In Lampeter, in the old town hall, you will find the Welsh Quilt Centre, a working museum and heritage centre in the Teifi Valley dedicated to the simple but distinctive craft of quilting. During the 17th and 18th Centuries, the quilted bedcovers that existed were nearly all utilitarian and made of heavy worsted material or woollen fabric encasing an old woollen blanket. This began to change in the 18th Century with the emergence of decorative quilts, and so a crafting lineage was born.

The museum itself was founded by Welsh quilt collector and historian Jen Jones in 2009 and officially opened by The Prince of Wales and Duchess of Cornwall in 2010. Jones came to Wales from Massachusetts in 1971, and though she had been collecting and making her own traditional Welsh quilts for some time, at the time she arrived, the Welsh weaving traditions were at a basic standstill. Since this time, she’s helped spread the word and revive appreciation for this most precious textile traditions. In addition to the museum, she runs a café and a shop selling vintage Welsh quilts and blankets along with books, gifts, and items by contemporary textile artists and craftspeople, and an exhibition that enthralls even the most uninitiated of visitors to the centre.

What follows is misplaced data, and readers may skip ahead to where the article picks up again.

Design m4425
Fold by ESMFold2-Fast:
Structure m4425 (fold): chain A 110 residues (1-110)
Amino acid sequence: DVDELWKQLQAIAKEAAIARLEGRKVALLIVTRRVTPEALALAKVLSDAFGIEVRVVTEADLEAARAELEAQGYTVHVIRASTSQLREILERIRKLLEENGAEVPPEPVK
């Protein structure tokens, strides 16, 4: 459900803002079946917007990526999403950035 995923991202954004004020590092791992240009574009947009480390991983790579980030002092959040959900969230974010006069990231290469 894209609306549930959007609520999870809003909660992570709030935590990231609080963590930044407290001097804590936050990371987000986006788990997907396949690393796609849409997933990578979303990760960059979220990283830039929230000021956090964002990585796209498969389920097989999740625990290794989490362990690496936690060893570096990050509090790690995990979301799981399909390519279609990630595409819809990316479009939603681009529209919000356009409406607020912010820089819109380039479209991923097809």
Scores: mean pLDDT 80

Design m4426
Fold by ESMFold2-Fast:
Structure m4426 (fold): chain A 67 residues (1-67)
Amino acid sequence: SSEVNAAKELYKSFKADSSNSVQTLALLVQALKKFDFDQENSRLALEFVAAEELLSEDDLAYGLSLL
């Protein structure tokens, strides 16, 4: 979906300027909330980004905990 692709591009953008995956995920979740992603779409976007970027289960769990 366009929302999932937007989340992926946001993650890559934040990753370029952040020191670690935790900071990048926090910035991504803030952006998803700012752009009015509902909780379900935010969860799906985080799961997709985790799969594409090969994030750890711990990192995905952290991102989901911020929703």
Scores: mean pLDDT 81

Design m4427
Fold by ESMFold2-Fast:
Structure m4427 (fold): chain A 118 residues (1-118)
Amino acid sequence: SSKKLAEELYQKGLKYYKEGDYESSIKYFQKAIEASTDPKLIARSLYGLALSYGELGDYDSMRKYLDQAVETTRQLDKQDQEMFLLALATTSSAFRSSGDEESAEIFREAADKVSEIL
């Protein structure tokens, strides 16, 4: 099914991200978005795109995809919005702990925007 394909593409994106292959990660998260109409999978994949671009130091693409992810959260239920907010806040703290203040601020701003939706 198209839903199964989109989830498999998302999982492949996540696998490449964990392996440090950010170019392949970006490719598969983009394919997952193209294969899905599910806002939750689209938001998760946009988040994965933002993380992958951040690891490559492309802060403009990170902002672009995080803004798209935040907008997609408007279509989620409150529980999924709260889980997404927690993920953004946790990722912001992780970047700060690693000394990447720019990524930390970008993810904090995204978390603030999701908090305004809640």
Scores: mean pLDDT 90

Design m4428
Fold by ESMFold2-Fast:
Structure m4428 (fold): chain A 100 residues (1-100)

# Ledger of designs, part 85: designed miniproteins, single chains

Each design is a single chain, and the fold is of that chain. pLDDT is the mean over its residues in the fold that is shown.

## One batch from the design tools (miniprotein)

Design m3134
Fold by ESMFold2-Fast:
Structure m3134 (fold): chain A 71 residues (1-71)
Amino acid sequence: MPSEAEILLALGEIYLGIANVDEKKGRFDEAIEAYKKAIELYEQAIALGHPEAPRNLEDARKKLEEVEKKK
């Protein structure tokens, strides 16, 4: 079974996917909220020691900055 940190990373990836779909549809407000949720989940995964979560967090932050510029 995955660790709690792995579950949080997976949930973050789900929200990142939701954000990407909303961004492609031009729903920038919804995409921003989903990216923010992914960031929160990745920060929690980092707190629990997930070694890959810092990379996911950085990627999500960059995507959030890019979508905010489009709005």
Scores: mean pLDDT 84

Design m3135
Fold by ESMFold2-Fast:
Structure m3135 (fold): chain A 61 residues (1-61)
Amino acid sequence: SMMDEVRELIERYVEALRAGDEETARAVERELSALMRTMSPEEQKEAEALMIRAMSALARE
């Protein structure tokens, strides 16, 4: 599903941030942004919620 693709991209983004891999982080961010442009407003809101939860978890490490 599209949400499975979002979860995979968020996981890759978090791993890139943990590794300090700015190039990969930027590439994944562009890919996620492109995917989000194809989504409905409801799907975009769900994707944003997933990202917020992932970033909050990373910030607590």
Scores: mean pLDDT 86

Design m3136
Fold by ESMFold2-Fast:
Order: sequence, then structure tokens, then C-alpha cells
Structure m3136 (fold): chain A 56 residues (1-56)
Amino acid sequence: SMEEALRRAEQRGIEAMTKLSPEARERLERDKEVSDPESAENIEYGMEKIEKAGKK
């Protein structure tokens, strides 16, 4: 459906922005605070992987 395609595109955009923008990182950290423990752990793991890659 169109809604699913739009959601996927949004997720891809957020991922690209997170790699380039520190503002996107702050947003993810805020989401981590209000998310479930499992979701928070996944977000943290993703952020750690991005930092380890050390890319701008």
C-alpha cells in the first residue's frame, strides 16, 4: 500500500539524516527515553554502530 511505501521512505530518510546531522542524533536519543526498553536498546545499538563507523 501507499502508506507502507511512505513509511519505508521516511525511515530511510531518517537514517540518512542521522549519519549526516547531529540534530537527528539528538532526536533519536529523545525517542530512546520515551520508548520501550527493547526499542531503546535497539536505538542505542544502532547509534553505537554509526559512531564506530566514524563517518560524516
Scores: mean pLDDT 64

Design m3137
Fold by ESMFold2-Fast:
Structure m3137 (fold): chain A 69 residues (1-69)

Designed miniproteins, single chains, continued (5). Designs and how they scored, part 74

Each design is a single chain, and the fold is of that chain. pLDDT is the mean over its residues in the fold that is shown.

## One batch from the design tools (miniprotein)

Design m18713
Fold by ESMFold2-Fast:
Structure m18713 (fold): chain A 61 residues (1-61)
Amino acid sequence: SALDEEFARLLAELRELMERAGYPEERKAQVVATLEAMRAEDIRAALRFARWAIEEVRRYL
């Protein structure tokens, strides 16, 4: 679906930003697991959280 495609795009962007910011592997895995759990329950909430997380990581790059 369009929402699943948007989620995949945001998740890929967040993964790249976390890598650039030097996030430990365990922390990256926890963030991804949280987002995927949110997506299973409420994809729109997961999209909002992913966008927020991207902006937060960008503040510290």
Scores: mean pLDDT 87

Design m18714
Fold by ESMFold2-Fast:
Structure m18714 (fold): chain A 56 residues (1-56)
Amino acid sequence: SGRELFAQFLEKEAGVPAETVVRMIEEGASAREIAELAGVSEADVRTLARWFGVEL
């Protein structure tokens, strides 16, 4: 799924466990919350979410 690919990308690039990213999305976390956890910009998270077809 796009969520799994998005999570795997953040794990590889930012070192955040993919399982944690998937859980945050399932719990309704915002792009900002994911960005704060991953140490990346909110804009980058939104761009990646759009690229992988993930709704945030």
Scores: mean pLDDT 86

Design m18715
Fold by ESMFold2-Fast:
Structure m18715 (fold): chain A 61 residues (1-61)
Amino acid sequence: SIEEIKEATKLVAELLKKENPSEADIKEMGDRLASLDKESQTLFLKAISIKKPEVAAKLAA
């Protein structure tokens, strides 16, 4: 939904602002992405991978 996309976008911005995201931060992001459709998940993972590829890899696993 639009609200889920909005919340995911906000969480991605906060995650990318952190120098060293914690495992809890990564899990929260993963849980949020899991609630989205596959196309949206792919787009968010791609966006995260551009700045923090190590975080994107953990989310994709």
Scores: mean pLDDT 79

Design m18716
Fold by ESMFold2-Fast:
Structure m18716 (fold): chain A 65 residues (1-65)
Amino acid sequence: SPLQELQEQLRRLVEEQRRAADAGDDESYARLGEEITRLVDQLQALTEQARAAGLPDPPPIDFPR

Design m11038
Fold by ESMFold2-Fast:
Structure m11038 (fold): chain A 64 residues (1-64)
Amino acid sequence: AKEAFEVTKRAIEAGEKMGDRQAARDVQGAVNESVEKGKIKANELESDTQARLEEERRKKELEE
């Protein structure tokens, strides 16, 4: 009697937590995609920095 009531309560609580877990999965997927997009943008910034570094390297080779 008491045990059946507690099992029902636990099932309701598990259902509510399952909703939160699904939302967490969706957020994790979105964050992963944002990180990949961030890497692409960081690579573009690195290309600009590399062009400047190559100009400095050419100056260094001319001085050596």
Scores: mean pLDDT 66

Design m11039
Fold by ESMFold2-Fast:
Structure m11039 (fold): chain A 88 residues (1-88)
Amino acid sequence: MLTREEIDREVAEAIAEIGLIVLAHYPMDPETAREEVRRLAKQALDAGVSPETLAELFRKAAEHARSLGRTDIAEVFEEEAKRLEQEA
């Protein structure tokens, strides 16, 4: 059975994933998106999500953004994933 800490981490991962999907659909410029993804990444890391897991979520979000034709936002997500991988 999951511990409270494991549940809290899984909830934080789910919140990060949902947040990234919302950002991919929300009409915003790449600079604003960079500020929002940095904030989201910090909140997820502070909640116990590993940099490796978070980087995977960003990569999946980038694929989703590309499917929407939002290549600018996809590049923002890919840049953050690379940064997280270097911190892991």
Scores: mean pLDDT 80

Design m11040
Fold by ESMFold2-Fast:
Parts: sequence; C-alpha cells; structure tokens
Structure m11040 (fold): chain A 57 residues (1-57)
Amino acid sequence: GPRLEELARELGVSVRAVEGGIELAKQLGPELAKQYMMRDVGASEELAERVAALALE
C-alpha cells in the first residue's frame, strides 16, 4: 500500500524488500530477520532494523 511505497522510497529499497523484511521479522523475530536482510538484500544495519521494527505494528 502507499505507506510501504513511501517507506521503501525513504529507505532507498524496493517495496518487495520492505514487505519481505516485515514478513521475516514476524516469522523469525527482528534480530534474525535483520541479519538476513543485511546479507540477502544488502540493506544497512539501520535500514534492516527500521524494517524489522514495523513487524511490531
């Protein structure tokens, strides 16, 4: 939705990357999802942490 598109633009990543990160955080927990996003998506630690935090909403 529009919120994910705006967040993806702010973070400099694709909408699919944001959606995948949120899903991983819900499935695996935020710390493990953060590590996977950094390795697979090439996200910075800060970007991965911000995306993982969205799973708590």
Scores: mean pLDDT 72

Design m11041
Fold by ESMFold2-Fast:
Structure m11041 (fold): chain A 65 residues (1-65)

Welsh quilting traditions in Ceredigion

Gareth Robinson is General Manager at Quality Cottages. Quality Cottages is a leading Wales-based holiday lettings agency established in 1961.

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Comments (10)

  1. Jeff G says:

    I had never heard the story of the sunken forest. It must make for some very eerie photos when the light is right.

  2. Alison Williams says:

    I’ve just read that the government may still ban travel even to countries that are on the green light. Foreign travel may be even more of a lottery than it was last summer. I think it’s sensible to start seriously researching places like Ceredigion.

  3. Max says: